Dressed in 'Corduroy'

New Book Finds Satirist's Self-Deprecating Wit Intact

David Sedaris

David Sedaris Hugh Hamrick hide caption

itoggle caption Hugh Hamrick

Writer, NPR commentator and former elf David Sedaris thrives in the oddest situations: autobiographical essays on his struggles with the French language, a vacation at a nudist colony, and his Macy's Santaland job have made him one of the most popular American humorists.

David Sedaris Reads Excerpts from 'Dress Your Family'

Listen An Excerpt from 'Baby Einstein'

Listen An Excerpt from 'Our Perfect Summer'

His latest collection of writings is called Dress Your Family in Corduroy and Denim. Readers and radio listeners will be happy to know that along with his self-deprecating humor, his eccentric family is back, including his mother Sharon, still at the helm with a cigarette, a drink and a caustic wit.

Read essays from 'Dress Your Family'

'Us and Them'

'Our Perfect Summer'

In Dress Your Family in Corduroy and Denim, Sedaris recounts losing his candy one childhood Halloween, touring and secretly coveting Anne Frank's old house, and drowning a mouse in the dark of night. "Sometimes I worry that I never really advanced beyond adolescence. Anything that is grotesque, anything that is scatological — I'm right there," Sedaris tells NPR's Steve Inskeep.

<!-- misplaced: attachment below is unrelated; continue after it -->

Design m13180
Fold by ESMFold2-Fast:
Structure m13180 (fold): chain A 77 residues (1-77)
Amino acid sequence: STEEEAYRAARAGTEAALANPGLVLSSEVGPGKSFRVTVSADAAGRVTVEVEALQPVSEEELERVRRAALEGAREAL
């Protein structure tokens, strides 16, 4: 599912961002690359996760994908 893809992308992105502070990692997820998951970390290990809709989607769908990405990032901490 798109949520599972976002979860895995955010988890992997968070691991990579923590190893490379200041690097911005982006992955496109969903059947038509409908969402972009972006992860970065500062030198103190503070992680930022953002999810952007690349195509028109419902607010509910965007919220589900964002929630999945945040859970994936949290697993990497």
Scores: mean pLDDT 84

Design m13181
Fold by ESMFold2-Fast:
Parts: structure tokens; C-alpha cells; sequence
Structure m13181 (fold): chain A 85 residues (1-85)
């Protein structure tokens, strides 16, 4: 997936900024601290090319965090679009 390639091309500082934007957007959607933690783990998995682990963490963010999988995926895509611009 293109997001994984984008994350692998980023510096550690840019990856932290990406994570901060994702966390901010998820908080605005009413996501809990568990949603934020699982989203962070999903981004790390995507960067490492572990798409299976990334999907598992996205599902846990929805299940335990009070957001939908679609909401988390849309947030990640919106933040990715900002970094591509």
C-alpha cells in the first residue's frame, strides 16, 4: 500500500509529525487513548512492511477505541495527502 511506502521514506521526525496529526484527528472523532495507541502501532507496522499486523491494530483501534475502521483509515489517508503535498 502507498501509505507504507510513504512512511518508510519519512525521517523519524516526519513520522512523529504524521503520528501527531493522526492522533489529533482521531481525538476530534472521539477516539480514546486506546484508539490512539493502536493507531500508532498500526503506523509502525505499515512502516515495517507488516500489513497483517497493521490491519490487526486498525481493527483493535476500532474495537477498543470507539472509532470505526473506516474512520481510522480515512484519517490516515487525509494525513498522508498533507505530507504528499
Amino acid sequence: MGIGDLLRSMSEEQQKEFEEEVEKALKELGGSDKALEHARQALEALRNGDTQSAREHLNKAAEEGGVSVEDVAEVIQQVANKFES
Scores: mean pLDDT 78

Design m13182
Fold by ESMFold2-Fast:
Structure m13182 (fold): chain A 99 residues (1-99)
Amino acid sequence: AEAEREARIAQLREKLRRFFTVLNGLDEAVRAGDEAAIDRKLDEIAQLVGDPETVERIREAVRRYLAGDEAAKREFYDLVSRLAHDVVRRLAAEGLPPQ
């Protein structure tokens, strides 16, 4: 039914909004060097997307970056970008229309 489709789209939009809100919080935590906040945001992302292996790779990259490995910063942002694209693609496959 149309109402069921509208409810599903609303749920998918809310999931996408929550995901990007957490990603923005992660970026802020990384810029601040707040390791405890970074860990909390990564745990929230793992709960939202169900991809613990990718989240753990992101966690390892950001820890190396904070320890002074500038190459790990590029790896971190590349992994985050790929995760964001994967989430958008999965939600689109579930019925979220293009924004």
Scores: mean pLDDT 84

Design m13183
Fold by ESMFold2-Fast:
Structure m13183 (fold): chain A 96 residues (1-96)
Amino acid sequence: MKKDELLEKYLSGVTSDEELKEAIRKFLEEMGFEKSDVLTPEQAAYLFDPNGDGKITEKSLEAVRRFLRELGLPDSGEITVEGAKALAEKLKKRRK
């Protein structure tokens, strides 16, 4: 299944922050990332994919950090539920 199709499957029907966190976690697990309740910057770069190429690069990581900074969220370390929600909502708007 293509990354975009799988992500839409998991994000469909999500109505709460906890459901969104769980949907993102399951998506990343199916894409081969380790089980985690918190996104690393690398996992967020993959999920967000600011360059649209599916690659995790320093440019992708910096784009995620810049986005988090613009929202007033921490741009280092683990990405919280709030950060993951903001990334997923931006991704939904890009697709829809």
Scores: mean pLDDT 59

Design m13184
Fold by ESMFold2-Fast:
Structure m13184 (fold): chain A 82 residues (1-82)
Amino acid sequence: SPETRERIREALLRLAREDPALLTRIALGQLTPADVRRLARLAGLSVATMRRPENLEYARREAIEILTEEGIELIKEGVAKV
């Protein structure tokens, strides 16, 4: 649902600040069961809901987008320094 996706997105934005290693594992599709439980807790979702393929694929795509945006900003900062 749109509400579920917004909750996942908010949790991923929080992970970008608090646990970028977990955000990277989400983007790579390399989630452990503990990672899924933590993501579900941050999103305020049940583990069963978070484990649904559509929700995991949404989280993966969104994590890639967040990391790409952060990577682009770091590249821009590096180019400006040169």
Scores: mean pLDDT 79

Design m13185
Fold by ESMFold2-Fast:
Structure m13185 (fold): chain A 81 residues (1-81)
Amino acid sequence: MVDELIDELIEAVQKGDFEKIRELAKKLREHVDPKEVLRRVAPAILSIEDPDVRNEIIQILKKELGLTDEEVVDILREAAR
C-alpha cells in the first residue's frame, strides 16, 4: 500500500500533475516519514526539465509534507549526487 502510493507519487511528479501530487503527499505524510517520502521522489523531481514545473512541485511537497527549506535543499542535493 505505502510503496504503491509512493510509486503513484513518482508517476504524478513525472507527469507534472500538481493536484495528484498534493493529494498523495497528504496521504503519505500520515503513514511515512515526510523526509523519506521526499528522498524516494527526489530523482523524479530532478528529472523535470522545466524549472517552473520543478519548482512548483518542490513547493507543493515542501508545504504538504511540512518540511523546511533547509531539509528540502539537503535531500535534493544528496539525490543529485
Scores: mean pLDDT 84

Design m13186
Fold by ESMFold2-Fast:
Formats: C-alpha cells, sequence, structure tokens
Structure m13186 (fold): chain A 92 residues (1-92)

This item is available for purchase online. Your purchase helps support NPR.

Comments

 

Please keep your community civil. All comments must follow the NPR.org Community rules and Terms of Use. NPR reserves the right to use the comments we receive, in whole or in part, and to use the commenter's name and location, in any medium. See also the Terms of Use, Privacy Policy and Community FAQ.